All that's needed is actually momentum equilibrium: I'm throwing something downwards, so I get an upwards force (I'm also slowing it down some, so it comes at the cost of drag).

Algrokoz wrote:
picnic_crossfire wrote:Can anyone here actually answer that student's question?

Yes, it's quite easy actually. A lot of the lift from a planes wings comes from the fact that they are tilted downwards, i.e. like the blade of a ceiling fan or your hand when you stick it out your car window. If your engine is strong enough it can provide enough lift from this alone, with no pressure differentials.

First part: correct, second part: wrong.
You're pushing air down by means of pressure differentials. The pressure distribution on a lifting body is how the force that we know already must be there is transferred to the body (or: from the body to the air). Looking at the pressure distribution or looking at the mass that's being moved (or at the circulation that is being created) are just different levels of observation, and they must always lead to precisely the same result.

wbeaty wrote:It's impossible to understand airplanes by only employing 2D flow diagrams. These diagrams depict an odd sort of "flatland flight" where no work is performed on the air, and an airfoil could ideally coast along forever.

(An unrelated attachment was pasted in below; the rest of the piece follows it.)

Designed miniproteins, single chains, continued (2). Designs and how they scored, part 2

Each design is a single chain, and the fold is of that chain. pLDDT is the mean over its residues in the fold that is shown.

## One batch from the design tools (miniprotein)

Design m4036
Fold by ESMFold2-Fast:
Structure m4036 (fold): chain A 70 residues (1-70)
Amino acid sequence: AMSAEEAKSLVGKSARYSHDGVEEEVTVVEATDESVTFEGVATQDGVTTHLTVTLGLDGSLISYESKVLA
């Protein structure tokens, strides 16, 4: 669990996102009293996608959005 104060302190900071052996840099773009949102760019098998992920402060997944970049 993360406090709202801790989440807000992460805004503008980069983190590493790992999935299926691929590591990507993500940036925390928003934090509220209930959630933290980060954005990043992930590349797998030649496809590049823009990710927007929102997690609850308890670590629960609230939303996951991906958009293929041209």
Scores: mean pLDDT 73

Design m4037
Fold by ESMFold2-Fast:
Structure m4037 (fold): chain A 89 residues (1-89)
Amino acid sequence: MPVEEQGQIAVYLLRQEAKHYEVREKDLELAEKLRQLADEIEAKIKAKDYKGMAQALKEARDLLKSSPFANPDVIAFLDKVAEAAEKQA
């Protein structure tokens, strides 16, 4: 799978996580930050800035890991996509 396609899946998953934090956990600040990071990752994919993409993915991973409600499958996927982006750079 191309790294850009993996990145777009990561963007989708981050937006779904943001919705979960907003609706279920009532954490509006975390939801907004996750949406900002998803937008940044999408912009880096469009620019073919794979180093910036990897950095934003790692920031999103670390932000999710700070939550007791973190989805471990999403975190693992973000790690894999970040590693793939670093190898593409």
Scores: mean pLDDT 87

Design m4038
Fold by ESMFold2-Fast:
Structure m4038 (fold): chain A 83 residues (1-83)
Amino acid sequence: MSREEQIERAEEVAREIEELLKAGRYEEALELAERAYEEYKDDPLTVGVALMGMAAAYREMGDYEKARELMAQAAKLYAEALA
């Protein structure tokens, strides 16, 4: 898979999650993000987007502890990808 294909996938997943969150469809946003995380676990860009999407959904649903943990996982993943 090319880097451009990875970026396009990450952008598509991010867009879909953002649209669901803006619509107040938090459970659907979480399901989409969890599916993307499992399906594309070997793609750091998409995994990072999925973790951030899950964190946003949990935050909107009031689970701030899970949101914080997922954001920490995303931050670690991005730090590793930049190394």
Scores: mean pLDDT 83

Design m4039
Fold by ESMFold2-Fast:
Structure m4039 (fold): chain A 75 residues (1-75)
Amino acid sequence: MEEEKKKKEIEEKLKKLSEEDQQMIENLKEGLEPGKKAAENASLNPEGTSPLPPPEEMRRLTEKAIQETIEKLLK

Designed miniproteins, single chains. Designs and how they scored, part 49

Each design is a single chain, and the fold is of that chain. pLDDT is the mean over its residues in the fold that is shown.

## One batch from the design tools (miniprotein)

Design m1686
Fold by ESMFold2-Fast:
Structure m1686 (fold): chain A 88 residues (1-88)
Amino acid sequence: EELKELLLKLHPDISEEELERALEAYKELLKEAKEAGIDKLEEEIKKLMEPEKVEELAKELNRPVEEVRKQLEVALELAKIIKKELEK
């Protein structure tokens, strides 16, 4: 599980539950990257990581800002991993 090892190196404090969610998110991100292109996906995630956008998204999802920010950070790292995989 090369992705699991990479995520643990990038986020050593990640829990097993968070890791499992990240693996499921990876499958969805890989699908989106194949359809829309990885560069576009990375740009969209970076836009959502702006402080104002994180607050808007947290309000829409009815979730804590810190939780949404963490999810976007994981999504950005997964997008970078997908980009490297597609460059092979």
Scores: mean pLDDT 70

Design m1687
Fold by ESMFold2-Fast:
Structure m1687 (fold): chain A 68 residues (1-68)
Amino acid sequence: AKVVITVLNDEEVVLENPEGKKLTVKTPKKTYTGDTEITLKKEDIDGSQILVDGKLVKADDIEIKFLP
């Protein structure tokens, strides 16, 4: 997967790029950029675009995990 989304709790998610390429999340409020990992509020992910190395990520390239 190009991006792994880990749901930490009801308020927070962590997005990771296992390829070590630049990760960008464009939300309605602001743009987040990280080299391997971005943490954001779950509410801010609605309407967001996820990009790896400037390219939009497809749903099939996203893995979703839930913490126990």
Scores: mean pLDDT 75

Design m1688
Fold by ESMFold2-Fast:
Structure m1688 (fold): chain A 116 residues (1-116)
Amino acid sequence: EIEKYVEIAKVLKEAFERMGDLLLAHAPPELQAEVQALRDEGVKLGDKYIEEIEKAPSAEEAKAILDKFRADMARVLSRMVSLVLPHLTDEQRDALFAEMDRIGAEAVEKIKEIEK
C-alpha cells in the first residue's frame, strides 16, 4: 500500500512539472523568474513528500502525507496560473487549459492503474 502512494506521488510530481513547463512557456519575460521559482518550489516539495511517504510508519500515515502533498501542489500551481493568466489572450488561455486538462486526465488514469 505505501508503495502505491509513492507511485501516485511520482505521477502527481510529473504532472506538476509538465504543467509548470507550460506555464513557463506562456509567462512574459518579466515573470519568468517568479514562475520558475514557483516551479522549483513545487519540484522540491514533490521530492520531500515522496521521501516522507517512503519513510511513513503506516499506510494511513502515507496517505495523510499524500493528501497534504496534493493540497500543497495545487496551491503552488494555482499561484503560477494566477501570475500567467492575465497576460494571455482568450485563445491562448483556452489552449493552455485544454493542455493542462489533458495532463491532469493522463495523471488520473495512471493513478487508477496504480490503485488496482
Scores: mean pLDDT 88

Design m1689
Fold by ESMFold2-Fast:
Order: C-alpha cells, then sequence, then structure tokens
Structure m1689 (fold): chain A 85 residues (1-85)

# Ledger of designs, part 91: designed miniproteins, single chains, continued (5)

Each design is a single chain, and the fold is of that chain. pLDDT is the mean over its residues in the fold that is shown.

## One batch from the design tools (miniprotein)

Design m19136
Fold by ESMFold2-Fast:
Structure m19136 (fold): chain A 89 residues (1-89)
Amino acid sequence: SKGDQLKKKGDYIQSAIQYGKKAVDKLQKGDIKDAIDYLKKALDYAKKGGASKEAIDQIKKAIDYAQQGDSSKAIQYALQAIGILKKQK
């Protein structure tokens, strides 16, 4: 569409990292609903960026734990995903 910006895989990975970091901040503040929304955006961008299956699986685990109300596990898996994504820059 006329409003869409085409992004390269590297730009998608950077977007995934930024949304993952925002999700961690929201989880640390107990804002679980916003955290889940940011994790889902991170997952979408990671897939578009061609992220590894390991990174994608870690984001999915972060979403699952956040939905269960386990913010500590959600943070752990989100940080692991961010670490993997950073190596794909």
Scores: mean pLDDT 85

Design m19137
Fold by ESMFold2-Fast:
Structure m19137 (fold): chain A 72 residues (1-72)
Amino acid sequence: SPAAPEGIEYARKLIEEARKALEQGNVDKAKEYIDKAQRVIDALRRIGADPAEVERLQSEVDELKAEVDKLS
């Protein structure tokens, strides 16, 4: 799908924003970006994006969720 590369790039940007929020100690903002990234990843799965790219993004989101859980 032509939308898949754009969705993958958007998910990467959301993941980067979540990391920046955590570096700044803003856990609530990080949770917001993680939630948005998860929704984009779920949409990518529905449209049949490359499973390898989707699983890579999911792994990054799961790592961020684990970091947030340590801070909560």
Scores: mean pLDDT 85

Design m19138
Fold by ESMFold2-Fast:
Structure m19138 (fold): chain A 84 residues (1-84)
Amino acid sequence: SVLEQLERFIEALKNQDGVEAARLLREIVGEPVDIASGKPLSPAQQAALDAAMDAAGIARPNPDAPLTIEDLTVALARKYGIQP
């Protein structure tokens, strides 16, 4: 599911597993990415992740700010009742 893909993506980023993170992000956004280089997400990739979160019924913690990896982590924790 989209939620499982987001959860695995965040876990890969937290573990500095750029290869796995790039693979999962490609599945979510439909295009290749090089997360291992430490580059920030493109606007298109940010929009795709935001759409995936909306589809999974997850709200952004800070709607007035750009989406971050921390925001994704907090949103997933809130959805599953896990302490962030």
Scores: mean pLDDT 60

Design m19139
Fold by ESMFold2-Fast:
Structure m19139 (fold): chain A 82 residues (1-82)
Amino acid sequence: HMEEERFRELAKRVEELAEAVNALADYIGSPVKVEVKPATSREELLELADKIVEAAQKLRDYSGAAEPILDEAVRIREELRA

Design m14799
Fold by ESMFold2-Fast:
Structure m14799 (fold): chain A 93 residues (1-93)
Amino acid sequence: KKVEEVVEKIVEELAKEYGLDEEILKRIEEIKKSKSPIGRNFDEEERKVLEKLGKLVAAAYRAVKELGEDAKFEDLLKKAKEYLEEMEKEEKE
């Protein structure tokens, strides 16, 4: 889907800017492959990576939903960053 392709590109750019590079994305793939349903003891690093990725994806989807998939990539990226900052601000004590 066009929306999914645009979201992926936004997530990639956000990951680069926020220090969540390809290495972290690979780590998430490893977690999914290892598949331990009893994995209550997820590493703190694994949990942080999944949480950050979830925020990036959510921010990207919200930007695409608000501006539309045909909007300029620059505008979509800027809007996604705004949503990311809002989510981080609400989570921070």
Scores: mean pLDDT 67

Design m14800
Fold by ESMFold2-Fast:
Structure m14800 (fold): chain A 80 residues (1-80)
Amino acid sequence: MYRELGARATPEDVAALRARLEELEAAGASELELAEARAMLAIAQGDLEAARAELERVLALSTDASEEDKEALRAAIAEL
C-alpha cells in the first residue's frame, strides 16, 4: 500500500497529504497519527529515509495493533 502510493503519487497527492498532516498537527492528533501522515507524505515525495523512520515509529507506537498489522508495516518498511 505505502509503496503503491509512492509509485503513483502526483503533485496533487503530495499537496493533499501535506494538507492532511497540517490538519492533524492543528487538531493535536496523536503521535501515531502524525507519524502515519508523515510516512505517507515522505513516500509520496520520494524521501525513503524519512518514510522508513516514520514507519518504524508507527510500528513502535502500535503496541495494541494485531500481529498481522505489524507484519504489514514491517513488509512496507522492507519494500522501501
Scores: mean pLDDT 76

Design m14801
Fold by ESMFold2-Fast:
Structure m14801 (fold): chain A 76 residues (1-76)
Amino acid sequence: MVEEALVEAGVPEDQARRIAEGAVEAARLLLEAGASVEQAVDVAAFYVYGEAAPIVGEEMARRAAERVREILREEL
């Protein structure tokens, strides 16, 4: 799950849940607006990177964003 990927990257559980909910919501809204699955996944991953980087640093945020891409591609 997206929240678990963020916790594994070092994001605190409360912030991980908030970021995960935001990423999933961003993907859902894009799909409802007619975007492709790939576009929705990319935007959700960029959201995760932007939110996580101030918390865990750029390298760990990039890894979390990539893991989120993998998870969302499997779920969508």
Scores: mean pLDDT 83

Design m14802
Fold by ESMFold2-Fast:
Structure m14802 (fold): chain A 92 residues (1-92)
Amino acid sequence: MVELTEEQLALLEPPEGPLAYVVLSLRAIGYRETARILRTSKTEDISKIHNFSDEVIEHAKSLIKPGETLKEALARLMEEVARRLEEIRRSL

Sorry, wbeaty, that's not quite correct
Aircraft are being designed with 2D methods on a regular basis, only in advanced stages is it necessary to move to 3D.
A 2D analysis shows how an airfoil would perform if it was part of an infinite wing. For a sailplane, this is very close to the truth, for a typical passenger aircraft, it's a good approximation, for a delta wing, it's ... well, not much use. Keep in mind, though, that "2D" doesn't mean inviscid, incompressible etc.. Maybe the 2D analyses you're familiar with are really low-fi models? In case you're referring to NASA's "foilsim" Java applet: That's just a better illustraton, by no means a simulation. XFLR5 (available at sourceforge) uses a potential flow method that is already pretty accurate. You can also make a transonic Navier-Stokes analysis of a 2D airfoil and be extremely close to reality. "full" Navier-Stokes solutions are not feasible yet, though (only for really small scales, like a centimeter of a flat plate or so). If someone today says they're doing them, they usually mean Reynolds-averaged Navier-Stokes, which means the effects of microscopic turbulence in the boundary layer and in shear layers is statistically modelled. No problem in most cases but sometimes a weak point.